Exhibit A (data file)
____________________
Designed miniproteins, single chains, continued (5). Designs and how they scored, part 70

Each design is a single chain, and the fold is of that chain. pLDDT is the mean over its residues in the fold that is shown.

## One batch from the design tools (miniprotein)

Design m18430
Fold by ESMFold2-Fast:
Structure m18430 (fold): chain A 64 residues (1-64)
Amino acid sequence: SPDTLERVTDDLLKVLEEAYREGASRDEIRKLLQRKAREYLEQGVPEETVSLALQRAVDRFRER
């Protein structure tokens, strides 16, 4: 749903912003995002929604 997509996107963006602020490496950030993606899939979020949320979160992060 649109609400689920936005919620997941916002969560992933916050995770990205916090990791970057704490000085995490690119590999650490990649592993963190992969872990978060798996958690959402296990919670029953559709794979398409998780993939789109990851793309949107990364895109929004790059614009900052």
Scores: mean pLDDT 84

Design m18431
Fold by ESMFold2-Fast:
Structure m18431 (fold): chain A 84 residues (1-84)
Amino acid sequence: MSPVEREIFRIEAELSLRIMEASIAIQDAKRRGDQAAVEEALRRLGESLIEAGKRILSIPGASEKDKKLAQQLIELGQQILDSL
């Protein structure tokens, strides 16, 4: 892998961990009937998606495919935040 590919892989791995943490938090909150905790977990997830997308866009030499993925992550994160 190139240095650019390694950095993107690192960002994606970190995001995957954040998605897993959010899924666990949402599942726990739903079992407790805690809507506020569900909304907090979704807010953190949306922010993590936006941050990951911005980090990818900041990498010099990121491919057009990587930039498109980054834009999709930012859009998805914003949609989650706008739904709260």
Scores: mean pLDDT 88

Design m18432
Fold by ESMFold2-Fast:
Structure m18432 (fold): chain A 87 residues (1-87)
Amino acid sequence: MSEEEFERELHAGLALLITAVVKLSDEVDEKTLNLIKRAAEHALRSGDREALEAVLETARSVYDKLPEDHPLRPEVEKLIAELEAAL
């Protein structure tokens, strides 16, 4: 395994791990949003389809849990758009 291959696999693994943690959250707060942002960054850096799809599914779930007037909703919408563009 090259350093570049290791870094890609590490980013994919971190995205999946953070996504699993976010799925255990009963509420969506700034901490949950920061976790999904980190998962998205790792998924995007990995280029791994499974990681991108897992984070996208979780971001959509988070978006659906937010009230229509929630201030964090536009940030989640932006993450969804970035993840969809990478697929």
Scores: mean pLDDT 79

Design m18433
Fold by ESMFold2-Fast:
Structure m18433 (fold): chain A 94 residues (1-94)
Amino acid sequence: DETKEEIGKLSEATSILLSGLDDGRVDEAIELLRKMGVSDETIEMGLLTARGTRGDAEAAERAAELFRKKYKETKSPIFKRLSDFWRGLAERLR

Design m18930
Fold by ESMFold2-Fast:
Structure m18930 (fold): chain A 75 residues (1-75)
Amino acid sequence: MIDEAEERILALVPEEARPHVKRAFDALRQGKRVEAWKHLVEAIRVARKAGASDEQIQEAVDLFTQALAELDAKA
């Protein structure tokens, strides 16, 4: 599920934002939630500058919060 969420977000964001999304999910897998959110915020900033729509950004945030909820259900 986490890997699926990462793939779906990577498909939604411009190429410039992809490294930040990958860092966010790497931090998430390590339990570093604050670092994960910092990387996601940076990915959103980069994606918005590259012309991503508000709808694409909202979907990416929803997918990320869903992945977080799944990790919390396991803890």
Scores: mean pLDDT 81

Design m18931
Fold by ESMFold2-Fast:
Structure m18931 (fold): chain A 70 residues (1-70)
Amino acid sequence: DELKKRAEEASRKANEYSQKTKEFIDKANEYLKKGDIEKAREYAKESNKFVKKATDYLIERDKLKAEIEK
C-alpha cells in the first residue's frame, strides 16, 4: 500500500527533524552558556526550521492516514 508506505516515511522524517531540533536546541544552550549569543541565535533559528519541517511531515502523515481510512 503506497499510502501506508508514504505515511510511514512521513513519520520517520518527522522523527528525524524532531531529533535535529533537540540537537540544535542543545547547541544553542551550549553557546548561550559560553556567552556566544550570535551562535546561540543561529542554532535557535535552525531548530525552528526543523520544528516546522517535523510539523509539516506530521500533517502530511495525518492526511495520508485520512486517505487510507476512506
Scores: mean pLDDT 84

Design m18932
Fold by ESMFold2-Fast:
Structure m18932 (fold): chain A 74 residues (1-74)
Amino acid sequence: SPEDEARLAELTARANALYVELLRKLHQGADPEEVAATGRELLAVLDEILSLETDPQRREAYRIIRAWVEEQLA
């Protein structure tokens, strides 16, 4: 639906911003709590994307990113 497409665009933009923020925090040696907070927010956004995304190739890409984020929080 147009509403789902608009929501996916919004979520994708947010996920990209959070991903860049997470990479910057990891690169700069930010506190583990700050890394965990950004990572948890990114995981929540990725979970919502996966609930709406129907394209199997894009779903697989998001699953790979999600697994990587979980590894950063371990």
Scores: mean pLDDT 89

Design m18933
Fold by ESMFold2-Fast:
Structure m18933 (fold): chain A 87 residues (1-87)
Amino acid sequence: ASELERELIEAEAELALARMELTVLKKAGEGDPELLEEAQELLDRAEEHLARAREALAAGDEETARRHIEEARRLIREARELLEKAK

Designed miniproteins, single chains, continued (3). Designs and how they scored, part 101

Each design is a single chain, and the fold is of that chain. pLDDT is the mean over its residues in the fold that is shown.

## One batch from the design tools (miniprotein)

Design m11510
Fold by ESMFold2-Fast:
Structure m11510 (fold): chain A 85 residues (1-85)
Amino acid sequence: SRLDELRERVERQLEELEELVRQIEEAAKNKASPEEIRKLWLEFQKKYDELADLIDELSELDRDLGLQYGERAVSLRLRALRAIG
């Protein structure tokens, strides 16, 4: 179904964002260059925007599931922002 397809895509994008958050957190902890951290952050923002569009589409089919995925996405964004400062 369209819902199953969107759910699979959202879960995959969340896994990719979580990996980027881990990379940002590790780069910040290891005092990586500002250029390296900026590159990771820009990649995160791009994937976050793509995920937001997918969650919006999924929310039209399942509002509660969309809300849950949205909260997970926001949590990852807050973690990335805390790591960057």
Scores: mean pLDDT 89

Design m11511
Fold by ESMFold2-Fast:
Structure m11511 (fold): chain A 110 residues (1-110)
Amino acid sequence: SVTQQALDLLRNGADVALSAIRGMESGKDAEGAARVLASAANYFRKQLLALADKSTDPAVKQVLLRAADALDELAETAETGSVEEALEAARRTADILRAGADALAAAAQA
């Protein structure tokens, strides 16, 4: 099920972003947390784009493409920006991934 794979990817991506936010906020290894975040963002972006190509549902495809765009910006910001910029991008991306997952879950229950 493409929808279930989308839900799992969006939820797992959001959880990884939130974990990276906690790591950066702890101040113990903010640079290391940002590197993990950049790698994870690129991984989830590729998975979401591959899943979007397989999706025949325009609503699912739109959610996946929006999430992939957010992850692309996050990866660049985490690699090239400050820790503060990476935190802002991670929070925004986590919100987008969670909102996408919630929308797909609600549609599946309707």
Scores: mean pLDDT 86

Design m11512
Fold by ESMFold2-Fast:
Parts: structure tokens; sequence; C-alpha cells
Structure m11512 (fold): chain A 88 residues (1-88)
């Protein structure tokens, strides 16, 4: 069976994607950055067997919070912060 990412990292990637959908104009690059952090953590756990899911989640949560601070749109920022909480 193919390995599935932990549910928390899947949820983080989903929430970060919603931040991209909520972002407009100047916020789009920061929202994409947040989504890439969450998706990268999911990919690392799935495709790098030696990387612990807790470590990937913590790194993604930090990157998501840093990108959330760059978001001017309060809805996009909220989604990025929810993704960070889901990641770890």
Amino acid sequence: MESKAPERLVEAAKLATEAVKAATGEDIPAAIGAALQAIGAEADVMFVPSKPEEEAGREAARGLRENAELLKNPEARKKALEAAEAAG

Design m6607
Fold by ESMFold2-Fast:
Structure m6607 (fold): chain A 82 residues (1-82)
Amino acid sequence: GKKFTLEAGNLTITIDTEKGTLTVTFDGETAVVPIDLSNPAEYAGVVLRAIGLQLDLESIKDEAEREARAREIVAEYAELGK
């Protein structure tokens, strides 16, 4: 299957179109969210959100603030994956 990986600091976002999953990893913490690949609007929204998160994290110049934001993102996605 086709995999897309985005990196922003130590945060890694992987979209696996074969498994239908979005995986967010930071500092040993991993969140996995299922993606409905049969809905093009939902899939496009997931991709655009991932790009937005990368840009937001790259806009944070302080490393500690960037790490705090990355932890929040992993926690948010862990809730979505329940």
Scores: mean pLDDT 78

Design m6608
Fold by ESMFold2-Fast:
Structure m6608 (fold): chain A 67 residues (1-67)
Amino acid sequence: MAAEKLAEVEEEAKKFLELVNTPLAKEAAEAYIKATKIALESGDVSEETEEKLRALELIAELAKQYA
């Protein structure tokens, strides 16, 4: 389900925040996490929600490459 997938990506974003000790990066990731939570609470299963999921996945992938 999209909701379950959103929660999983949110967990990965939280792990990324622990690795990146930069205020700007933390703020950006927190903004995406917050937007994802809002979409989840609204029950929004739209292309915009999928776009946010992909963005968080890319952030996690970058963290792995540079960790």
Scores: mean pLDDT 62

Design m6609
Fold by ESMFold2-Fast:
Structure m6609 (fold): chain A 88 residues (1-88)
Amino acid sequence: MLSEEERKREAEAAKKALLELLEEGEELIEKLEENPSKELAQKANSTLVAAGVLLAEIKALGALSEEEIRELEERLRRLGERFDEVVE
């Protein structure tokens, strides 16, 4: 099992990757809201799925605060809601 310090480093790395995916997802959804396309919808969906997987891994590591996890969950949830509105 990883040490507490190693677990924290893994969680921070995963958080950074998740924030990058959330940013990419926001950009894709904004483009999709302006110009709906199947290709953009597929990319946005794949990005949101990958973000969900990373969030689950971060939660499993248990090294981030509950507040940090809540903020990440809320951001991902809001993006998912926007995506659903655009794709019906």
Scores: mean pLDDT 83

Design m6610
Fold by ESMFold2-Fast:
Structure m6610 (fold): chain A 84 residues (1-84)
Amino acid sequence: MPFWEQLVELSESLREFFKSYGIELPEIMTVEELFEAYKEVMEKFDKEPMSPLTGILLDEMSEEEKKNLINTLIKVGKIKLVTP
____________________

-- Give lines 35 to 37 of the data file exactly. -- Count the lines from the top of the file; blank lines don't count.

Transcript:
Amino acid sequence: DELKKRAEEASRKANEYSQKTKEFIDKANEYLKKGDIEKAREYAKESNKFVKKATDYLIERDKLKAEIEK
C-alpha cells in the first residue's frame, strides 16, 4: 500500500527533524552558556526550521492516514 508506505516515511522524517531540533536546541544552550549569543541565535533559528519541517511531515502523515481510512 503506497499510502501506508508514504505515511510511514512521513513519520520517520518527522522523527528525524524532531531529533535535529533537540540537537540544535542543545547547541544553542551550549553557546548561550559560553556567552556566544550570535551562535546561540543561529542554532535557535535552525531548530525552528526543523520544528516546522517535523510539523509539516506530521500533517502530511495525518492526511495520508485520512486517505487510507476512506
Scores: mean pLDDT 84